WASHINGTON Aug 20 A top Northrop Grumman Corp
official said on Tuesday that his company was making "a
lot of progress" in talks with the German government about the
country's stalled purchase of four Euro Hawk drones, and what is
needed to certify their airworthiness.
"We're continuing to try to work with the Germans to find a
solution," Tom Vice, president of Northrop's aerospace systems
division, told reporters. "We're continuing to have discussions.
We're making a lot of progress."
Germany backed away in May from its 1.2 billion euro plan to
buy four more Euro Hawk high-altitude reconnaissance drones,
saying that meeting the standards required to win aviation
approval would cost 500 million to 600 million euros.
The German armed forces have one prototype Euro Hawk, which
is based on the Global Hawk unmanned drone that Northrop builds
for the U.S. Air Force, and were considering whether to purchase
an additional four drones, which are made by Northrop and
European aerospace company EADS.
Janis Pamiljans, vice president and general manager of
Northrop's unmanned systems division, told German lawmakers last
month the original plan for the Euro Hawk purchase was to take
advantage of existing U.S. airworthiness efforts, but German
officials later changed their requirements.
To aid the process, she said Northrop provided over 4,000
technical documents, sent engineers to a German air base to
provide German authorities with detailed insight into the system
and opened the Euro Hawk testing activities to German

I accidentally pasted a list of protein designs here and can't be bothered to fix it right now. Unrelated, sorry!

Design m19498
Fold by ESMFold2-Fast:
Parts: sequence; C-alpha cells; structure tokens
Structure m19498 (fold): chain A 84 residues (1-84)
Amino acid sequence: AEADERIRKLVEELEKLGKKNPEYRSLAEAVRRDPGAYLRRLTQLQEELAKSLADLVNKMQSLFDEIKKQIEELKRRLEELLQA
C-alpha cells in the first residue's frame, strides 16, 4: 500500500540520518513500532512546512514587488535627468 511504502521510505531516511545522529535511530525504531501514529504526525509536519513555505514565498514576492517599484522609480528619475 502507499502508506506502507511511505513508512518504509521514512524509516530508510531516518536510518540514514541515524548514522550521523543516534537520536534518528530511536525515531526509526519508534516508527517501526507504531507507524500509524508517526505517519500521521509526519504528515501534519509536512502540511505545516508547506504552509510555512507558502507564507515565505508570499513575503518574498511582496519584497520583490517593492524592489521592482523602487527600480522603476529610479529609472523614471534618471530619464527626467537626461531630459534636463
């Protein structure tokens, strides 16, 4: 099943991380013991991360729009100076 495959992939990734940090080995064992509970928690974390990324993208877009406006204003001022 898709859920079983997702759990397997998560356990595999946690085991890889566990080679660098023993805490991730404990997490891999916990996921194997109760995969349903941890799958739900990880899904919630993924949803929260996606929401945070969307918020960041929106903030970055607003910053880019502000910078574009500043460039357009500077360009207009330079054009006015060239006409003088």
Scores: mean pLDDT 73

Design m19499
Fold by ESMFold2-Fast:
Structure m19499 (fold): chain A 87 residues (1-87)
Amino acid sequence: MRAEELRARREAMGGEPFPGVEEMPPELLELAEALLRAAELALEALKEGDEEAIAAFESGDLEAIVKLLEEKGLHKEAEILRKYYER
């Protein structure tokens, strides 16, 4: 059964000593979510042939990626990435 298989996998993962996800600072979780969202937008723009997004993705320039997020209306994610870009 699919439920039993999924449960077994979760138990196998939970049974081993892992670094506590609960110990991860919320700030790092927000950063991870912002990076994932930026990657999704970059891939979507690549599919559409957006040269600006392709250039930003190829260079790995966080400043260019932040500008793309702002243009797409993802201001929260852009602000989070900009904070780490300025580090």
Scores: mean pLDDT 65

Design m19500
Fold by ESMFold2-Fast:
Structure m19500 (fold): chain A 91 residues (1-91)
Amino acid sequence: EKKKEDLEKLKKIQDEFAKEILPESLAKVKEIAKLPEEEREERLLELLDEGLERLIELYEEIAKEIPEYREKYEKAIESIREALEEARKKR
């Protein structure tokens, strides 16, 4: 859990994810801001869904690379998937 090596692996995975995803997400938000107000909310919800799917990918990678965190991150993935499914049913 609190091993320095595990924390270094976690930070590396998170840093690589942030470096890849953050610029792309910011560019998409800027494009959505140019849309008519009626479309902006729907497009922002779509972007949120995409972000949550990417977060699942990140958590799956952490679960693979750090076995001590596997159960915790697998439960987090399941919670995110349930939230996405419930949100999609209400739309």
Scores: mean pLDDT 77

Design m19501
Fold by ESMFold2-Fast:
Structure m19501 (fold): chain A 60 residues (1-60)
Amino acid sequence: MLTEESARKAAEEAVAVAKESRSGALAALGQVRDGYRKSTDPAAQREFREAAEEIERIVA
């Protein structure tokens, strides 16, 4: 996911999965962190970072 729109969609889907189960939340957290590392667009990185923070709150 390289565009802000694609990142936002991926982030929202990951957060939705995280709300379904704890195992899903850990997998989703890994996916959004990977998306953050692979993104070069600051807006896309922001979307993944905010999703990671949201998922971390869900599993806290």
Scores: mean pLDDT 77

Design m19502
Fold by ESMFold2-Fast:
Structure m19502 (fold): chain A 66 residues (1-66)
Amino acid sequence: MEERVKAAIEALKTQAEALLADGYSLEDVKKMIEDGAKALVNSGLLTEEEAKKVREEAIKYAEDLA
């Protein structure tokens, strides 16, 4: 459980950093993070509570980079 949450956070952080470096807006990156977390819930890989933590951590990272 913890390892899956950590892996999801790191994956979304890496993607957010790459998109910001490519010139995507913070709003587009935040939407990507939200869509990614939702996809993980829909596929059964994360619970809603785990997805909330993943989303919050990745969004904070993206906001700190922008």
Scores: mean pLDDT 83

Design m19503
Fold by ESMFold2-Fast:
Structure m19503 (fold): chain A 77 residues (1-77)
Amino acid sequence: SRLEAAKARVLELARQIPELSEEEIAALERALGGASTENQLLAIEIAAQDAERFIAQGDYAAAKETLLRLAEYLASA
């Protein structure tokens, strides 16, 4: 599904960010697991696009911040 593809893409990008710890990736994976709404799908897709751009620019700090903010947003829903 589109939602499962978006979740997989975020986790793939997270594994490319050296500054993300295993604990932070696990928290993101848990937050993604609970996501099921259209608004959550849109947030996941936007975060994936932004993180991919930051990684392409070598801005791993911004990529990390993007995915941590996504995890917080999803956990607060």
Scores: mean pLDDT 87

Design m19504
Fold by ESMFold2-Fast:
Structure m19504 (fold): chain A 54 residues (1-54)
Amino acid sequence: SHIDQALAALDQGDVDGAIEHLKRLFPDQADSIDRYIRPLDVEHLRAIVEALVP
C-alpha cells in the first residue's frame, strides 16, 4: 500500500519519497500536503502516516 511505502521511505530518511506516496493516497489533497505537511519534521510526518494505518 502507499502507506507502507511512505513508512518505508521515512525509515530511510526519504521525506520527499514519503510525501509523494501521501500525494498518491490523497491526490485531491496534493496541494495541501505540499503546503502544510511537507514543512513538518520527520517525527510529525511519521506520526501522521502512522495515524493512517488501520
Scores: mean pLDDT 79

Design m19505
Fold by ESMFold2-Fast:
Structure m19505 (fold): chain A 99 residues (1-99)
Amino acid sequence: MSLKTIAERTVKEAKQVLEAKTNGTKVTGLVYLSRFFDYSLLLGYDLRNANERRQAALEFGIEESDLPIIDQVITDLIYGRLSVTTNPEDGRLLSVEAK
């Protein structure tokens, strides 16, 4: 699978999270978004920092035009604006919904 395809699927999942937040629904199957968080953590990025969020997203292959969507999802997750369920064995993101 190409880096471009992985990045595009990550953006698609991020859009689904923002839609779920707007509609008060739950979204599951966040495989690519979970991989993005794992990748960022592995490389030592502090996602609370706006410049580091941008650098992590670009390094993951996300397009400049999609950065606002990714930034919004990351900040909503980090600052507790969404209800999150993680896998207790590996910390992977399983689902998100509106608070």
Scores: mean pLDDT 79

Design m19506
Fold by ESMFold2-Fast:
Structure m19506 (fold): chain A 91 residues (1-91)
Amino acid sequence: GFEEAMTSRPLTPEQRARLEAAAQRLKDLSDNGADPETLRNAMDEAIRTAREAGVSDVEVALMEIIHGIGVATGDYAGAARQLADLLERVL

Northrop officials say they remain convinced that Euro Hawk
would meet the German government's needs, despite Berlin's
change of heart, and argue that starting over with another
platform would result in big cost increases and schedule delays.
Pamiljans said Northrop believed the certification
requirements could be completed for 160 million to 193 million
euros, far less than the estimates provided by some German
On Tuesday, Vice said Germany's prototype Euro Hawk was
continuing to prove its technical capabilities and completed a
flight of over 25 hours last week, one of the longest unmanned
flights over European air space.
"The capability matches their needs and the program is doing
extremely well," Vice said.
Vice said Northrop was continuing aggressive efforts to
reduce the cost per flying hour of the U.S. version of the plane
and had already cut that cost significantly.
He said the company was also pursuing possible sales of
unmanned systems to South Korea, Australia and possibly Japan,
although it could take several years to complete those